Difference between revisions of "2003 AIME II Problems/Problem 8"
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<math>(a+7r_1)(b+7r_2) = ab + 7(ar_2 + br_1) + 49r_1r_2 = 1440 + 7(348) + 49(-72) = \boxed{348}</math>. | <math>(a+7r_1)(b+7r_2) = ab + 7(ar_2 + br_1) + 49r_1r_2 = 1440 + 7(348) + 49(-72) = \boxed{348}</math>. | ||
+ | |||
+ | ===Solution 3=== | ||
+ | Let the first sequence be | ||
+ | |||
+ | <math>A={a+d_1, a + 2d_1, a + 3d_1, \cdots}</math> | ||
+ | |||
+ | and the second be | ||
+ | |||
+ | <math>B={b+d_2, b + 2d_2, b + 3d_2, \cdots}</math>, | ||
+ | |||
+ | with <math>(a+d_1)(b+d_2)=1440</math>. Now, note that the <math>n^{\text{th}}</math> term of sequence <math>A</math> is <math>a+d_1 n</math> and the <math>n^{\text{th}}</math> term of <math>B</math> is <math>b + d_2 | ||
+ | n</math>. Thus, the <math>n^{\text{th}}</math> term of the given sequence is | ||
+ | |||
+ | <math>n^2(d_1 + d_2) + n(ad_2 + bd_1) + ab</math>, | ||
+ | |||
+ | a quadratic in <math>n</math>. Now, letting the given sequence be <math>C</math>, we see that | ||
+ | |||
+ | <math>C_n - C_{n-1} = n^2(d_1 + d_2) + n(ad_2 + bd_1) + ab - (n-1)^2(d_1 + d_2) - (n-1)(ad_2 + bd_1) - ab = n(2d_1 + 2d_2) + ad_2 + bd_1 - d_1 - d_2</math>, | ||
+ | |||
+ | a linear equation in <math>n</math>! Since <math>C_2 - C_1 = 276</math> and <math>C_3 - C_2 = 132</math>, we can see that, in general, we have | ||
+ | |||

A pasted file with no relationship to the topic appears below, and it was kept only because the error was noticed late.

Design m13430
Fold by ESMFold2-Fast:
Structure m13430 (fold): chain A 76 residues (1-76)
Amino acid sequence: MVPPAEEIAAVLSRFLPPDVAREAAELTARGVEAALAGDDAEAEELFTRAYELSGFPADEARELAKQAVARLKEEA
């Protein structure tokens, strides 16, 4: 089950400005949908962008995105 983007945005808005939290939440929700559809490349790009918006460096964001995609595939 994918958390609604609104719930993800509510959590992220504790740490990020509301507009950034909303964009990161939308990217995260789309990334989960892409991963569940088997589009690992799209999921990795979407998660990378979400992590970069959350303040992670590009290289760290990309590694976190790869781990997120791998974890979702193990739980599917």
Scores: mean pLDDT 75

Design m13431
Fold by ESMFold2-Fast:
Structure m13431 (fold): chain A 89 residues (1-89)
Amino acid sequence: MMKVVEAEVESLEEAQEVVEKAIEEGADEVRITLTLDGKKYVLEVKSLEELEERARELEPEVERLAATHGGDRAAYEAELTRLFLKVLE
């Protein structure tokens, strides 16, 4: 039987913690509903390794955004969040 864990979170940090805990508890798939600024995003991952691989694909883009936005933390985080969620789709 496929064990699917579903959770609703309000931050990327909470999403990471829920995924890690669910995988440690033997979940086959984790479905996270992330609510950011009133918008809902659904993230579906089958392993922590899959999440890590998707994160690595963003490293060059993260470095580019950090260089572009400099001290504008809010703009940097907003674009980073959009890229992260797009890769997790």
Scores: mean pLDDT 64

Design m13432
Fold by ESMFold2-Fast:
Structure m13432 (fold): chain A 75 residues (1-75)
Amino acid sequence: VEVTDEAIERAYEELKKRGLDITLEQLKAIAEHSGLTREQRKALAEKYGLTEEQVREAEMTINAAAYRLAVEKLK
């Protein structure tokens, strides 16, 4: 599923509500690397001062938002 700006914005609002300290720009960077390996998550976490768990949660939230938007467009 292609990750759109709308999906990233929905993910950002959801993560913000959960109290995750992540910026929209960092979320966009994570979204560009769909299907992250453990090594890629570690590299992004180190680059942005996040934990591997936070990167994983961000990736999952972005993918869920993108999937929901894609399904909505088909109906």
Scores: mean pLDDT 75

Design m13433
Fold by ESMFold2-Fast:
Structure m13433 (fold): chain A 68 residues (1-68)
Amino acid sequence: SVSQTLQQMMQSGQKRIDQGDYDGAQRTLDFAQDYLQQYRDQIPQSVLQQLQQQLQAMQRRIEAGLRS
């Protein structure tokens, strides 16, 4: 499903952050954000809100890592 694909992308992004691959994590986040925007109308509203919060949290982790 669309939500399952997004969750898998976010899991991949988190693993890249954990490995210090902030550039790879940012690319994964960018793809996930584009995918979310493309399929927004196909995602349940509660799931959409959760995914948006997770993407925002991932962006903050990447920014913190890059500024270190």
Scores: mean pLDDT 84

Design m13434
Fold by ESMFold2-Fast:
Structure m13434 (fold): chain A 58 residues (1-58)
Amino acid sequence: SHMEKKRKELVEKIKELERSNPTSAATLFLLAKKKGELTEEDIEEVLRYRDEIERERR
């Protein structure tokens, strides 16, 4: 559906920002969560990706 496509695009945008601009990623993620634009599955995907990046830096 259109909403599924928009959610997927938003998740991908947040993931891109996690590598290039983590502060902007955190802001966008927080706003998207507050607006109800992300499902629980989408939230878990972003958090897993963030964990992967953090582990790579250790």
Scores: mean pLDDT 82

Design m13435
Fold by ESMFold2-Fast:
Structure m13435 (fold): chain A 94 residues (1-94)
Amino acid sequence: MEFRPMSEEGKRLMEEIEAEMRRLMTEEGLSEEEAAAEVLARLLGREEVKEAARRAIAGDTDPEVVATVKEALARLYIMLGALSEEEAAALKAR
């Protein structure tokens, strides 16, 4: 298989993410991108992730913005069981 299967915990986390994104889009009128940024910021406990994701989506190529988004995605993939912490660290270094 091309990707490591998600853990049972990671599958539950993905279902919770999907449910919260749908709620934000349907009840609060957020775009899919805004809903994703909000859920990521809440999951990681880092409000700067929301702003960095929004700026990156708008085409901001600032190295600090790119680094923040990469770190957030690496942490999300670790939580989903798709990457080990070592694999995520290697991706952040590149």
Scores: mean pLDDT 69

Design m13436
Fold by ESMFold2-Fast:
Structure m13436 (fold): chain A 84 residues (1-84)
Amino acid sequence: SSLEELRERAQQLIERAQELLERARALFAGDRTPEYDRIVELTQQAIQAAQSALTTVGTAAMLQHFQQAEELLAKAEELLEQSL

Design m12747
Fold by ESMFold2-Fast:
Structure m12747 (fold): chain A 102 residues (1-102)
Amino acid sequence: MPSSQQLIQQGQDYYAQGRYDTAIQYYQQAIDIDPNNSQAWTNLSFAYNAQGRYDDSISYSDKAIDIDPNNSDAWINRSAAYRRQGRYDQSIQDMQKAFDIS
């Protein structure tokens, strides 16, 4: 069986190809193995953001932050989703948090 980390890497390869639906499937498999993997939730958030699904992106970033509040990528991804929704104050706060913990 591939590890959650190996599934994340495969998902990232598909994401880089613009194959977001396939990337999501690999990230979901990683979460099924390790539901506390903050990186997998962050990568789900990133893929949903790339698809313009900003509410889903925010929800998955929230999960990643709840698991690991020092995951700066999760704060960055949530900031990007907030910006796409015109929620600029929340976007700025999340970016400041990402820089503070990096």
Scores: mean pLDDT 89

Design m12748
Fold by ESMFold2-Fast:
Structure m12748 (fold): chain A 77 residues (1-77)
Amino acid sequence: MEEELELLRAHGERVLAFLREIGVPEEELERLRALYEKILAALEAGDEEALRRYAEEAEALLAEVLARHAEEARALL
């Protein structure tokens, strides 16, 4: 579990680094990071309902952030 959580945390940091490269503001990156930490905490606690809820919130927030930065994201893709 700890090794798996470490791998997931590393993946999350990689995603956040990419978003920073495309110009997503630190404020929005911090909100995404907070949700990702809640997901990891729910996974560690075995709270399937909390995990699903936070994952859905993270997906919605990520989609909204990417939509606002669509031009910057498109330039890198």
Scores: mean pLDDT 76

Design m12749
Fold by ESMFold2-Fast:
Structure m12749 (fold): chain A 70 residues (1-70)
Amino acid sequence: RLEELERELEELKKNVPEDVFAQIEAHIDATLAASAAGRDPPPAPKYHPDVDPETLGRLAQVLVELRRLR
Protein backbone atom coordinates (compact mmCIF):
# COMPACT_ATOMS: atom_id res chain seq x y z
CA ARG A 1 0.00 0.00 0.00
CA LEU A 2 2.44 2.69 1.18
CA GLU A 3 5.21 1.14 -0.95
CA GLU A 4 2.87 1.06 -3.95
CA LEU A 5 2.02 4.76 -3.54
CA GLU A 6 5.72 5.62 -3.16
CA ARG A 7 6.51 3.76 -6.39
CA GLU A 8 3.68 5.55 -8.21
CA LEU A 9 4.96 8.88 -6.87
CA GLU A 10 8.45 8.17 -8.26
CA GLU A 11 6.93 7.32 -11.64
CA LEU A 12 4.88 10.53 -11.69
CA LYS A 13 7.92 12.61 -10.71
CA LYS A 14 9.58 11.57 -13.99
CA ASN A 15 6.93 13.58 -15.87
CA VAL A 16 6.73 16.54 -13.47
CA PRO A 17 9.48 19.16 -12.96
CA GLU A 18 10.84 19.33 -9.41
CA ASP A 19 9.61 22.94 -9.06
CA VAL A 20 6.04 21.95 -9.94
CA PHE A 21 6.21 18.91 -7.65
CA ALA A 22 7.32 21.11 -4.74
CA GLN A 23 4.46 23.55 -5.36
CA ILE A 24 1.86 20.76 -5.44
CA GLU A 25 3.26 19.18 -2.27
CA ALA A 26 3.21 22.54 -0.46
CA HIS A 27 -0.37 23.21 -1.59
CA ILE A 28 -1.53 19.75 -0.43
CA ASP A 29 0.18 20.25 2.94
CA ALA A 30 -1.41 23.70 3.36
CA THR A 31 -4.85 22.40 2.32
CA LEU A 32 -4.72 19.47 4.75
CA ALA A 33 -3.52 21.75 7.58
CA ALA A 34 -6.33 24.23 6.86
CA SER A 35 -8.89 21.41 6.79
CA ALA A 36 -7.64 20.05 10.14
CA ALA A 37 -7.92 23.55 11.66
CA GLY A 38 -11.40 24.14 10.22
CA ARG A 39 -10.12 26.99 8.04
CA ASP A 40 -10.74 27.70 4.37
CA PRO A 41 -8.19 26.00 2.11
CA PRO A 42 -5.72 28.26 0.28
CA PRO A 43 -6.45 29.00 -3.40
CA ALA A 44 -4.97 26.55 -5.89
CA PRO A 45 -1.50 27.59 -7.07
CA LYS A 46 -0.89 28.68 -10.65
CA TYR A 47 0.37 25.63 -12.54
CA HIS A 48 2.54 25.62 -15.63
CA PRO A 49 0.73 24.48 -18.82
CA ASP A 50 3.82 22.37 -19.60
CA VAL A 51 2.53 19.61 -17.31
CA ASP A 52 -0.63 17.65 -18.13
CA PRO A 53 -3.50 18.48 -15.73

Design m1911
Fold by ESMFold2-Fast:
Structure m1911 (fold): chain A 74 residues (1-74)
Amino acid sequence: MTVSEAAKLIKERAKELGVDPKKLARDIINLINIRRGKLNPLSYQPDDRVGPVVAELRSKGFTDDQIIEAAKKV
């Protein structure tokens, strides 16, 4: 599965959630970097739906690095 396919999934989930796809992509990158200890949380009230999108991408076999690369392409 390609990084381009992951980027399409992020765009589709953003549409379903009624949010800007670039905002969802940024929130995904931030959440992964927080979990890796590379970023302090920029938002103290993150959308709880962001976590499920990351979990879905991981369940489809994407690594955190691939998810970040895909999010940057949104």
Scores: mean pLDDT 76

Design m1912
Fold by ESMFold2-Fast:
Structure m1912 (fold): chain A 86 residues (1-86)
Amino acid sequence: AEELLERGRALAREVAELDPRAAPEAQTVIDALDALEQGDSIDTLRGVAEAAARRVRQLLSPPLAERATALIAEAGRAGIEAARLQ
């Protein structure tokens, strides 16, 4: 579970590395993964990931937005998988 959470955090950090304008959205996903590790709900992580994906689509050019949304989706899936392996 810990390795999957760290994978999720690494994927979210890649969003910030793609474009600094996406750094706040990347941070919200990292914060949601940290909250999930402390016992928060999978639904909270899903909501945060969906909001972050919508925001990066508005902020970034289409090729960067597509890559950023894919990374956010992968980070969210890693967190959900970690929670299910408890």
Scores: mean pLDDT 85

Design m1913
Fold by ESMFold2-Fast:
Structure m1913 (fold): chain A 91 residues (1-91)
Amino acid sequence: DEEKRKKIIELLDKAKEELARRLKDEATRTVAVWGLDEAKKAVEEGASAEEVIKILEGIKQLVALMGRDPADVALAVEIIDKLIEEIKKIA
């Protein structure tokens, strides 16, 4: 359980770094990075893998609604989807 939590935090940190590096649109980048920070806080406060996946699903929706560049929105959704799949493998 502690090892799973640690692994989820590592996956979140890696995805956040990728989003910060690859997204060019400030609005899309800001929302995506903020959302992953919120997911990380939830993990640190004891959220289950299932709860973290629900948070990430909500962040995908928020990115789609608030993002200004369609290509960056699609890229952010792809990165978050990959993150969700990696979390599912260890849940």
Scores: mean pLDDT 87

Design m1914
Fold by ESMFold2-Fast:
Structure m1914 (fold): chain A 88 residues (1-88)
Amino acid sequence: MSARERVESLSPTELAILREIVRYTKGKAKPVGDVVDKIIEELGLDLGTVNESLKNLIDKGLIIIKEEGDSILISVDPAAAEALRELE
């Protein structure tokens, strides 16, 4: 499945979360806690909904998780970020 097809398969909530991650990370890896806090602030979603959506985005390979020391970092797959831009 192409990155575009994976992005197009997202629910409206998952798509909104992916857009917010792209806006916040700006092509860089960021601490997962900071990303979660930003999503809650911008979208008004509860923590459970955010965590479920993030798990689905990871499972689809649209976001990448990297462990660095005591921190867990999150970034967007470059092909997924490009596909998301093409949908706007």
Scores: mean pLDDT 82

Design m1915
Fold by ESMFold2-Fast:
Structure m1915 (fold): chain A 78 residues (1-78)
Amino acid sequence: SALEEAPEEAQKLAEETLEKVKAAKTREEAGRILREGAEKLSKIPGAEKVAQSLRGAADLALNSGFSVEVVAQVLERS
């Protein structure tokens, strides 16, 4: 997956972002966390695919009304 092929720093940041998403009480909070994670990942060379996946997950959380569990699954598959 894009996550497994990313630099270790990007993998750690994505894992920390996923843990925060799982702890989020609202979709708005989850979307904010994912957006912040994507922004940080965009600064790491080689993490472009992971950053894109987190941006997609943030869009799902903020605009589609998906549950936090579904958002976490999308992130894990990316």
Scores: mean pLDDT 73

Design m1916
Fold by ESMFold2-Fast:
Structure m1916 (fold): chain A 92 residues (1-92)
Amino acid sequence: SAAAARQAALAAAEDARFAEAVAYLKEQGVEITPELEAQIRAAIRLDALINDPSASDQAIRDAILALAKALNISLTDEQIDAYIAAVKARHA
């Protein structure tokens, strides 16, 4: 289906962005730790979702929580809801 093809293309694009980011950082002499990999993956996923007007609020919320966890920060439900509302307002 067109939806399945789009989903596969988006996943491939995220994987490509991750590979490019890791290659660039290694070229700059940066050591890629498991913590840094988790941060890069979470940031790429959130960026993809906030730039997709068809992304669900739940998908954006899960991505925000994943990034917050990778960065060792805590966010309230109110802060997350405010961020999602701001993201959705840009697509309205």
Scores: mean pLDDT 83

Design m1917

+ | <math>C_n - C_{n-1} = 420 - 144n</math>. | ||
+ | |||
+ | Thus, we can easily find | ||
+ | |||
+ | <math>C_4 - C_3 = -12 \rightarrow C_4 = 1836</math>, | ||
+ | |||
+ | <math>C_5 - C_4 = -156 \rightarrow C_5 = 1680</math>, | ||
+ | |||
+ | <math>C_6 - C_5 = -300 \rightarrow C_6 = 1380</math>, | ||
+ | |||
+ | <math>C_7 - C_6 = -444 \rightarrow C_7 = 936</math>, and finally | ||
+ | |||
+ | <math>C_8 - C_7 = -588 \rightarrow \boxed{C_8 = 348}</math>. | ||
== See also == | == See also == | ||
{{AIME box|year=2003|n=II|num-b=7|num-a=9}} | {{AIME box|year=2003|n=II|num-b=7|num-a=9}} | ||
{{MAA Notice}} | {{MAA Notice}} |
Revision as of 21:33, 9 January 2016
Problem
Find the eighth term of the sequence whose terms are formed by multiplying the corresponding terms of two arithmetic sequences.
Solution
Solution 1
If you multiply the corresponding terms of two arithmetic sequences, you get the terms of a quadratic function. Thus, we have a quadratic such that , , and . Plugging in the values for x gives us a system of three equations:
Solving gives and . Thus, the answer is
Solution 2
Setting one of the sequences as and the other as , we can set up the following equalities
We want to find
Foiling out the two above, we have
and
Plugging in and bringing the constant over yields
Subtracting the two yields and plugging that back in yields
Now we find
.
Solution 3
Let the first sequence be
and the second be
,
with . Now, note that the term of sequence is and the term of is . Thus, the term of the given sequence is
,
a quadratic in . Now, letting the given sequence be , we see that
,
a linear equation in ! Since and , we can see that, in general, we have
.
Thus, we can easily find
,
,
,
, and finally
.
See also
2003 AIME II (Problems • Answer Key • Resources) | ||
Preceded by Problem 7 |
Followed by Problem 9 | |
1 • 2 • 3 • 4 • 5 • 6 • 7 • 8 • 9 • 10 • 11 • 12 • 13 • 14 • 15 | ||
All AIME Problems and Solutions |
The problems on this page are copyrighted by the Mathematical Association of America's American Mathematics Competitions.